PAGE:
It's only a matter of time now...Editing is DONE on BURY ME WITH MY PEOPLE. It will be sent off to the editor next week and should be back by the first of March. It WILL be available at Railroad Days at the end of April in Pleasant Hill. Woo Hoo!
LOU'S STORY: She Adder or Patriot? and FIRE ON THE HORIZON: The Death of the Morro Castle are both available in Ebook AND print form at my Amazon Author page. Go to:
https://www.amazon.com/author/www.dlrogersbooks.com to purchase either. BUT, if you're not sure, read the first chapter of LOU below...
Here's the first chapter of LOU to get you started...
May 14, 1863
Lorena McCoy jerked upright from a fitful sleep. She always slept poorly when Moses was gone, and tonight was no exception. Since her husband left their eighty-acre farm north of Missouri City almost a year ago to recruit for the Confederacy, Lou slept little.
She pushed her mussed, dark hair off her face. Uncertain what had disturbed her, she sat still in the inky blackness and listened. Then she heard it—voices. She jumped out of bed, fumbled around for her shawl and inched her way out of the bedroom through the darkness.
When she got to the front door, she put her ear against it.
“What’re we waiting for?” a disembodied voice questioned from the other side.
“What do you want me to do? Break it down before we give her a chance to open it?” another voice asked.
Lou stumbled back. She pulled her wrapper tight around her shoulders. Her heart thundered with the force of a herd of stampeded cattle. Her two children and ten-year-old brother slept in the other room. Who were these men and what did they want? What should she do? What could she do in the middle of the night?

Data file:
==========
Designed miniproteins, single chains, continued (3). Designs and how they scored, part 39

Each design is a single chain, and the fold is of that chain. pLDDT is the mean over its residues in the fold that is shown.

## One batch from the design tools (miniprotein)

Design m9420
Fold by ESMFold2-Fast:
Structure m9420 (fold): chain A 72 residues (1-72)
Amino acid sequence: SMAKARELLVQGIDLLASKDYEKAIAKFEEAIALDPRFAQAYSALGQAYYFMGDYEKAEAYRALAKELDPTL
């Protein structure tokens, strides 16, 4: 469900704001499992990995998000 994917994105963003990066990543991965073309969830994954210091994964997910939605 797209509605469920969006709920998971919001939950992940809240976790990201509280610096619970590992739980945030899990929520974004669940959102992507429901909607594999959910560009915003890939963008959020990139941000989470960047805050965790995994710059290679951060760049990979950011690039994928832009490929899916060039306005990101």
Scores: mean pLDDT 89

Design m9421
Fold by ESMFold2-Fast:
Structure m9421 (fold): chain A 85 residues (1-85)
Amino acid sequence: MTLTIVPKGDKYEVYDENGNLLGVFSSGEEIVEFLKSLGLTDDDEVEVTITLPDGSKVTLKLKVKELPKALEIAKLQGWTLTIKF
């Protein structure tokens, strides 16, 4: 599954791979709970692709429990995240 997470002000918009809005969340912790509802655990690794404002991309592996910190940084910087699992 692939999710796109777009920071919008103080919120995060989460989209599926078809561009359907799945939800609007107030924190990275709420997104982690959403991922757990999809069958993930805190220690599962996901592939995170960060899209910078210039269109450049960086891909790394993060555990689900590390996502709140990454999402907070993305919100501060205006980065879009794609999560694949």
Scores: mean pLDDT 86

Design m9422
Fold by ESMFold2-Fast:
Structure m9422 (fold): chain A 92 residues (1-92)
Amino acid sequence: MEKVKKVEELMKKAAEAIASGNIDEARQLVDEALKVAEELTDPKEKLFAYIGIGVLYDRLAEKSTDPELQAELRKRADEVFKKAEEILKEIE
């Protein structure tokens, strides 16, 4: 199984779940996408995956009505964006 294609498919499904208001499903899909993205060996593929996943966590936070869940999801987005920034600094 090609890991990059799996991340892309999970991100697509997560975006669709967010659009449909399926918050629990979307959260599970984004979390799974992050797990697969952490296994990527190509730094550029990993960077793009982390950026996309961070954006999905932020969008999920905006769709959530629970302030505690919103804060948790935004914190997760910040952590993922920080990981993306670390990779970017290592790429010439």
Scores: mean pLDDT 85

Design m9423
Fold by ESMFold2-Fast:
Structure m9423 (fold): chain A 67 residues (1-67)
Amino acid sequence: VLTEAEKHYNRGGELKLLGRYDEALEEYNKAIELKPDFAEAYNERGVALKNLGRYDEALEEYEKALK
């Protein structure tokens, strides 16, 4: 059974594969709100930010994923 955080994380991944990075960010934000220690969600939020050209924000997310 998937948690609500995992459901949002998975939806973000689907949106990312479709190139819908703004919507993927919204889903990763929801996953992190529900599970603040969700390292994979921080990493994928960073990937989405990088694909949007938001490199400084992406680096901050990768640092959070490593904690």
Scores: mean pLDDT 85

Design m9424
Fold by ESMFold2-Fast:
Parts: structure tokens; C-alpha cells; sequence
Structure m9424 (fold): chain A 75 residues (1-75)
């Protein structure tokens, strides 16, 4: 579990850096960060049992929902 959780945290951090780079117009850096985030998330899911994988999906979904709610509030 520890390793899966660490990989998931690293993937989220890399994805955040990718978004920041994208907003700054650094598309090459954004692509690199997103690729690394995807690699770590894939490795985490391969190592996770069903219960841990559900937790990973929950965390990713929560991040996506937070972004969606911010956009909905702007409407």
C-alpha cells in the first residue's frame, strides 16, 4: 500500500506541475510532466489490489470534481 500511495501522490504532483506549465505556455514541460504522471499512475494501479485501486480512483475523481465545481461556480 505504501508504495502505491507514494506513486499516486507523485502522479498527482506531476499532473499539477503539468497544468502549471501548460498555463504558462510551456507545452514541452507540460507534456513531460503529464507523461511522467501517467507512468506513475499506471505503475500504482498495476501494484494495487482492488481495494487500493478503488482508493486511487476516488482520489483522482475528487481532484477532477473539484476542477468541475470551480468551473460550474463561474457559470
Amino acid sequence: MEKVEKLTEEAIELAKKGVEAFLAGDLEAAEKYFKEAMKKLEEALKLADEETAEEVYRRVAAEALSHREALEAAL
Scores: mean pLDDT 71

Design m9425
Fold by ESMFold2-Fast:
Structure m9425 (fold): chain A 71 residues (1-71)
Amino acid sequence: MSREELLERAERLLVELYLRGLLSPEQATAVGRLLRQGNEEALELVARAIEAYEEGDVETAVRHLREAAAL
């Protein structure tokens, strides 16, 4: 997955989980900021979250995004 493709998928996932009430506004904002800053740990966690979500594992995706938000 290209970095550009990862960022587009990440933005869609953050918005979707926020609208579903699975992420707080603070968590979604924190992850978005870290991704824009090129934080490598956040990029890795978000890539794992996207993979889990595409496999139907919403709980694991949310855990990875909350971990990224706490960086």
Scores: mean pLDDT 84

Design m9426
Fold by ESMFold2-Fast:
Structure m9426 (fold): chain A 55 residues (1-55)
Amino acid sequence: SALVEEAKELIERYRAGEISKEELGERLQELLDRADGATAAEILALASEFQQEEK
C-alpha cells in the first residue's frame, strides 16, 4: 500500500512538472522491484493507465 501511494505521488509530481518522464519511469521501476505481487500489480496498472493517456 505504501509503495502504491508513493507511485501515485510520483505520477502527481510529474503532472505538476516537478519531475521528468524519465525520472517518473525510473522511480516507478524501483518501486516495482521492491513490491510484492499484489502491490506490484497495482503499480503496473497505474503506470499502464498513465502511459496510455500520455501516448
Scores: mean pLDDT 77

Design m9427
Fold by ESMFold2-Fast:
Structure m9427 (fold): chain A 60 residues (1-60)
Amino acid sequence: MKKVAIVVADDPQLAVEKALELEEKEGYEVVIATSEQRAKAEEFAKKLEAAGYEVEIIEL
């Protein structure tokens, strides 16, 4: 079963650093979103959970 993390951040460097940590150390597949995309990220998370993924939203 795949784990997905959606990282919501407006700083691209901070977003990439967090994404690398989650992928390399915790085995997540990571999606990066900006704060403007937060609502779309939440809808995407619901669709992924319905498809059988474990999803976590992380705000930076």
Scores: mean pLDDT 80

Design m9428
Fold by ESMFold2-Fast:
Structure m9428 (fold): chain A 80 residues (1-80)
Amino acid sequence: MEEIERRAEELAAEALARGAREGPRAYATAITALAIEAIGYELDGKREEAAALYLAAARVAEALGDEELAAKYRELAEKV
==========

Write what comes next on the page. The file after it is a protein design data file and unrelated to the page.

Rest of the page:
She jumped at the shouted, “Open up inside!” She hurried to the table to find the lantern and matches. Her hands shook so, it took several tries to strike the match and light the wick.
“I’m coming.” She sounded as frightened as a child. The lump in her throat made it hard to breathe. She was certain whoever waited outside could hear her heart beating.
Lou shrieked when someone pounded on the door. She clutched her shawl tighter around her slender frame.
“Open the door or I will break it down,” the man shouted from the other side.
“I’m coming.” There was nothing she could do but what they wanted. She couldn’t get to the gun Moses had hidden under the floor and a knife would do her no good.
Lou stepped up, pulled back the lock and jerked the door open. In the light from her lantern, Lou made out five soldiers in Federal blue who shoved their way into the front room. The lump in Lou’s throat swelled to twice the size it had been only moments ago, and she could barely muster enough saliva to swallow.
Inside the room the soldiers turned to face her. One man took a step forward, a sergeant, she noted from the three stripes on his uniform. Lou scooted backward until the front door rested against her back. She curled her fingers around the frame to keep from sliding to the floor in a faint.
“You, Mrs. McCoy? Mrs. Moses McCoy?” the soldier asked, his tone harsh.
“We heard your husband was nearby and we’ve come for him.” The soldier’s mouth was hard, and his dark eyes bore into her like a hot poker.